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Ygal Rotenstreich, Adi Tzameret, Avraham Zangen; Transcranial Magnetic Stimulation Improves Retinal Function in an Animal Model of Retinal Dystrophy. Invest. Ophthalmol. Vis. Sci. 2012;53(14):5562.
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To evaluate the effect of transcranial magnetic stimulation (TMS) on retinal function in Royal College of Surgeons (RCS) rats.
Four weeks old RCS rats underwent electroretinogram (ERG) before TMS treatment and followed weekly for 7 weeks (11 weeks follow-up). A total of 24 rats received 6 or 12 sessions (1-2 or 1-4 weeks, respectively) of either real (active, n=8 / group) or sham (placebo, n=8 / group) TMS over the right eye. Evaluation of effects was performed using ERG in scotopic and photopic conditions every week in each eye.
Two weeks of treatment (6 sessions) indicated a delayed and transient improvement in the scotopic maximal negative ERG responses in each eye (24% and 102% of change improvement compared to placebo in the right and left eye respectively, 4 and 5 weeks after treatment p<0.05). Extending the treatment to four weeks (12 sessions) showed greater improvements in the negative ERG responses as well as in the maximal scotopic b-waves ERG amplitude responses. Three to five weeks after treatment the average maximal scotopic b-wave amplitude responses showed significant increase (P<0.05) of up to 637% and 363% of change relative to placebo in the right and left eyes respectively. The single flash photopic b- wave amplitude responses showed increase of 207% and 185% of change compare to placebo in the right and left eyes respectively.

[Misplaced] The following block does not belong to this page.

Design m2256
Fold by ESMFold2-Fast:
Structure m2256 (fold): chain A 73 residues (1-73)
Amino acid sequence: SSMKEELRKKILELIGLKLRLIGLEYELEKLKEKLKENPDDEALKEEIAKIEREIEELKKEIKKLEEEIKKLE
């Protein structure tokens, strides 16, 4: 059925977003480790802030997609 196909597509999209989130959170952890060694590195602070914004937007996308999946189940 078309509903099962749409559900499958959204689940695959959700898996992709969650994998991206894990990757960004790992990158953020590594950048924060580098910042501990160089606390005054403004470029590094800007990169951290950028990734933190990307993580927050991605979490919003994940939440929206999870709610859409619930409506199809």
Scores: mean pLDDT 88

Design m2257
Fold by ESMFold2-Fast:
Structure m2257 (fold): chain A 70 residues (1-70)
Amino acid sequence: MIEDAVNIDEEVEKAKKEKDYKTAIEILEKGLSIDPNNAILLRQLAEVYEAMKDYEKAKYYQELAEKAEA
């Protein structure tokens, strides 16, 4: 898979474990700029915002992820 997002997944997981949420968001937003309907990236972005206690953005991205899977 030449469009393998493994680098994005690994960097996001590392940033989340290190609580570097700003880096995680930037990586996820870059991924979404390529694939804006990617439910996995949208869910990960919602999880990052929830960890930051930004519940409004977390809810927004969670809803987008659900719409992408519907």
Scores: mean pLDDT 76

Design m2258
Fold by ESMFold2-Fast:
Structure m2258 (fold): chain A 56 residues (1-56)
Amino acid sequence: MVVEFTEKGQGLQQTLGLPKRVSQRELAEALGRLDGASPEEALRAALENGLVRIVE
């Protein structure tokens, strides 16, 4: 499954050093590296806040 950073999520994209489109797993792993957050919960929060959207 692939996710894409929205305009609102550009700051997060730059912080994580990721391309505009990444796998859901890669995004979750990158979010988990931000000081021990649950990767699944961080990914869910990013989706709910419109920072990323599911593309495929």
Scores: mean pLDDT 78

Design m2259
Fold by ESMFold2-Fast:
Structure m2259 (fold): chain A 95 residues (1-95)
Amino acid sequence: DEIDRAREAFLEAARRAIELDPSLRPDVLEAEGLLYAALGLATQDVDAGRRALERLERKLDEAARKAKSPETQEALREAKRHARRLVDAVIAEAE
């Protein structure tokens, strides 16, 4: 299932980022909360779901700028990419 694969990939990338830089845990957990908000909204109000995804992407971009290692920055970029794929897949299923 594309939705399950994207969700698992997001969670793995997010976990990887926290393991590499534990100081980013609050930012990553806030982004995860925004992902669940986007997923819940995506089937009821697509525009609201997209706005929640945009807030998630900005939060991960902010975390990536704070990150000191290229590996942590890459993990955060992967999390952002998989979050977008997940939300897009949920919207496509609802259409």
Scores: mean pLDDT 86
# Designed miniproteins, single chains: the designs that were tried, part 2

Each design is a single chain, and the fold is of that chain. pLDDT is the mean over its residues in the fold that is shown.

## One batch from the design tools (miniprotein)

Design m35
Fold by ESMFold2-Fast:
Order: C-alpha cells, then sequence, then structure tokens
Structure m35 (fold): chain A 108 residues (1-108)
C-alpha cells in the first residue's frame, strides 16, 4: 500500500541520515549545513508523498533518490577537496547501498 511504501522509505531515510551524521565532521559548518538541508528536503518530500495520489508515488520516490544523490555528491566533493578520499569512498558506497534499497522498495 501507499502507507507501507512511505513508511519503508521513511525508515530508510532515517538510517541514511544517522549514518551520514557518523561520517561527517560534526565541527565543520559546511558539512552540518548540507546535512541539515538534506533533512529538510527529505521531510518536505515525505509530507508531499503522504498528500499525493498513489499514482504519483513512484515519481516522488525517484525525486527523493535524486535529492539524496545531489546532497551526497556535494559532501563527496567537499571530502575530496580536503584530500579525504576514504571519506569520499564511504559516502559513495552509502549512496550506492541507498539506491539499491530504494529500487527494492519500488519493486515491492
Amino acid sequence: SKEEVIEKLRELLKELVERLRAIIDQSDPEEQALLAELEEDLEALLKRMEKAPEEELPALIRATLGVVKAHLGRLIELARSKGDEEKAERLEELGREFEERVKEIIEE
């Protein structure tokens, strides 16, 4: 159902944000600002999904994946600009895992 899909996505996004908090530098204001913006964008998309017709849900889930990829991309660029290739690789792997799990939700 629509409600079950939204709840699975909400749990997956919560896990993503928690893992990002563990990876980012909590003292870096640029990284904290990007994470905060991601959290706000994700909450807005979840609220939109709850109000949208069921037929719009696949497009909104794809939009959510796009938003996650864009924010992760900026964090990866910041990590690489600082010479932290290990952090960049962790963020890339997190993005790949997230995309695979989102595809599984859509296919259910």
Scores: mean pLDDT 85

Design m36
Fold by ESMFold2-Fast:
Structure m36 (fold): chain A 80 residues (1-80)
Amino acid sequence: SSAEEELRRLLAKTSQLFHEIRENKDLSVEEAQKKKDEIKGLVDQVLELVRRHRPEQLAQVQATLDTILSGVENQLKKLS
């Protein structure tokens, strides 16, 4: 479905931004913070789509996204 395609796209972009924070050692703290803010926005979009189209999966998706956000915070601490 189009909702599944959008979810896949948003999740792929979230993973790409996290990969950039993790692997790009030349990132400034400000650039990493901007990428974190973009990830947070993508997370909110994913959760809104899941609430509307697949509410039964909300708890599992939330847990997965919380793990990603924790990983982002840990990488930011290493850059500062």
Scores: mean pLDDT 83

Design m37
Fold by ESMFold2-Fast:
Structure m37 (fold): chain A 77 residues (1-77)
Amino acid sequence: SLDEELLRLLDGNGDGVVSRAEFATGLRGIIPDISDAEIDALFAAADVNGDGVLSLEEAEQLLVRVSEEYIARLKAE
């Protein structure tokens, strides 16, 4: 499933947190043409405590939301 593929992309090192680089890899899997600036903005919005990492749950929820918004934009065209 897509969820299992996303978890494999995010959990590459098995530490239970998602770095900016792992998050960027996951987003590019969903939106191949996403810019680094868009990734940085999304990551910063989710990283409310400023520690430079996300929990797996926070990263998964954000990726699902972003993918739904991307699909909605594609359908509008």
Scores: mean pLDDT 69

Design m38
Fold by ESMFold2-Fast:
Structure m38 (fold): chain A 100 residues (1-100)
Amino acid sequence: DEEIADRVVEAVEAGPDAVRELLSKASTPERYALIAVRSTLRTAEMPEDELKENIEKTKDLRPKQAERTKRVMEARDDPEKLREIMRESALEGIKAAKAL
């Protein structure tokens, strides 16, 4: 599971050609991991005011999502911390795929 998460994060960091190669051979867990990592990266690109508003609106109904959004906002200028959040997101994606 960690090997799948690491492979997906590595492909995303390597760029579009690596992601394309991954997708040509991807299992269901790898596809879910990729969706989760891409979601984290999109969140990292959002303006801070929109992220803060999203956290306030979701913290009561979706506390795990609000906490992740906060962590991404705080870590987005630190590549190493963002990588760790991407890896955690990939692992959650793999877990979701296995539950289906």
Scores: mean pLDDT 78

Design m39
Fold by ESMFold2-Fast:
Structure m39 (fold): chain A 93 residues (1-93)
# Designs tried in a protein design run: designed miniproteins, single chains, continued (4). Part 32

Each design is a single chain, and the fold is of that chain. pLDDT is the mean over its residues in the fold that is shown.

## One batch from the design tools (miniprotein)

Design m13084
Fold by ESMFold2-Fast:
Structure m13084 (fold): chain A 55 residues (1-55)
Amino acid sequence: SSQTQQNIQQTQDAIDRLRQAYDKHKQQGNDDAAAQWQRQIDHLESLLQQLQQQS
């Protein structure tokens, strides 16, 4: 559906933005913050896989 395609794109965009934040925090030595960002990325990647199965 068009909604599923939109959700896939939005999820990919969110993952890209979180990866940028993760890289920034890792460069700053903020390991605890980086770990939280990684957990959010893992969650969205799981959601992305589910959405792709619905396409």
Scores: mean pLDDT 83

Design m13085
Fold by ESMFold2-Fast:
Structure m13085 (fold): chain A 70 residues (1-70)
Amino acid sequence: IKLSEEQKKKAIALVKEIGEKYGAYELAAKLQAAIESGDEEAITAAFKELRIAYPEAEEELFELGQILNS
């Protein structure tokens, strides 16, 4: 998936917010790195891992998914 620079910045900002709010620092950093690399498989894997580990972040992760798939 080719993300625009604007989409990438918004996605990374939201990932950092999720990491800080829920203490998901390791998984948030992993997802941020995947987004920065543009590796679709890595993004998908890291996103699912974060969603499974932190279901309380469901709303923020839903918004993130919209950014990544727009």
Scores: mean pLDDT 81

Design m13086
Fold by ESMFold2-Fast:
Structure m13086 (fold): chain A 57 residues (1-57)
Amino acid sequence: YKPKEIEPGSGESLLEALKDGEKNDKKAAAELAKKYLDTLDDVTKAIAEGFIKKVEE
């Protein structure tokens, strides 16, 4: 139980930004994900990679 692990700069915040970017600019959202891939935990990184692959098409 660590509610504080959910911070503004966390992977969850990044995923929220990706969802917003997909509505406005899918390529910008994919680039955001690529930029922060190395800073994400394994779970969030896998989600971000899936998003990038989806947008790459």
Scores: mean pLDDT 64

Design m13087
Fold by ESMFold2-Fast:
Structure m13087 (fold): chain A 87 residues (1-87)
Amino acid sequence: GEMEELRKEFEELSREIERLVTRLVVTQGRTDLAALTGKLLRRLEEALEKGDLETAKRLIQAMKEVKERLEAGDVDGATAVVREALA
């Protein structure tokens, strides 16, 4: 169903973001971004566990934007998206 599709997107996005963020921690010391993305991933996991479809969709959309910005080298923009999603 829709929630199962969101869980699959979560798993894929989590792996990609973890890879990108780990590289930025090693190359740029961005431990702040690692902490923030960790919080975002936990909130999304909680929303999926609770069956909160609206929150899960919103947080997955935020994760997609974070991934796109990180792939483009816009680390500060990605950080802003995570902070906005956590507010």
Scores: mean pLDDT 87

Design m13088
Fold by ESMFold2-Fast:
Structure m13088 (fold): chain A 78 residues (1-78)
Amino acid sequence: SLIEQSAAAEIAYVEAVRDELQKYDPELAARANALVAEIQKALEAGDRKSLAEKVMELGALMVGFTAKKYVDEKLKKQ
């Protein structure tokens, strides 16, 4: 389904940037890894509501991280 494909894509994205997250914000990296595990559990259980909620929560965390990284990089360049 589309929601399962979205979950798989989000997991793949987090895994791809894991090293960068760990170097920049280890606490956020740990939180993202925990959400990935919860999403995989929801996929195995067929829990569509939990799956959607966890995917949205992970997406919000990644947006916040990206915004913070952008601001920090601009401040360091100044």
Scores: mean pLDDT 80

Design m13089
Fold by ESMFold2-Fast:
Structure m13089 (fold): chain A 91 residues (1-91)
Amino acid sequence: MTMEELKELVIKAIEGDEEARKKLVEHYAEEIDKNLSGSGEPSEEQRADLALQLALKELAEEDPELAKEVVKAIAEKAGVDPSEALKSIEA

Using a new application for TMS we showed for the first time that TMS treatment induces delayed improvement of the retinal function in animal model of retinal degeneration. These results suggest that repeated treatment with TMS might induce neural plasticity in the neuroretinal tissue.
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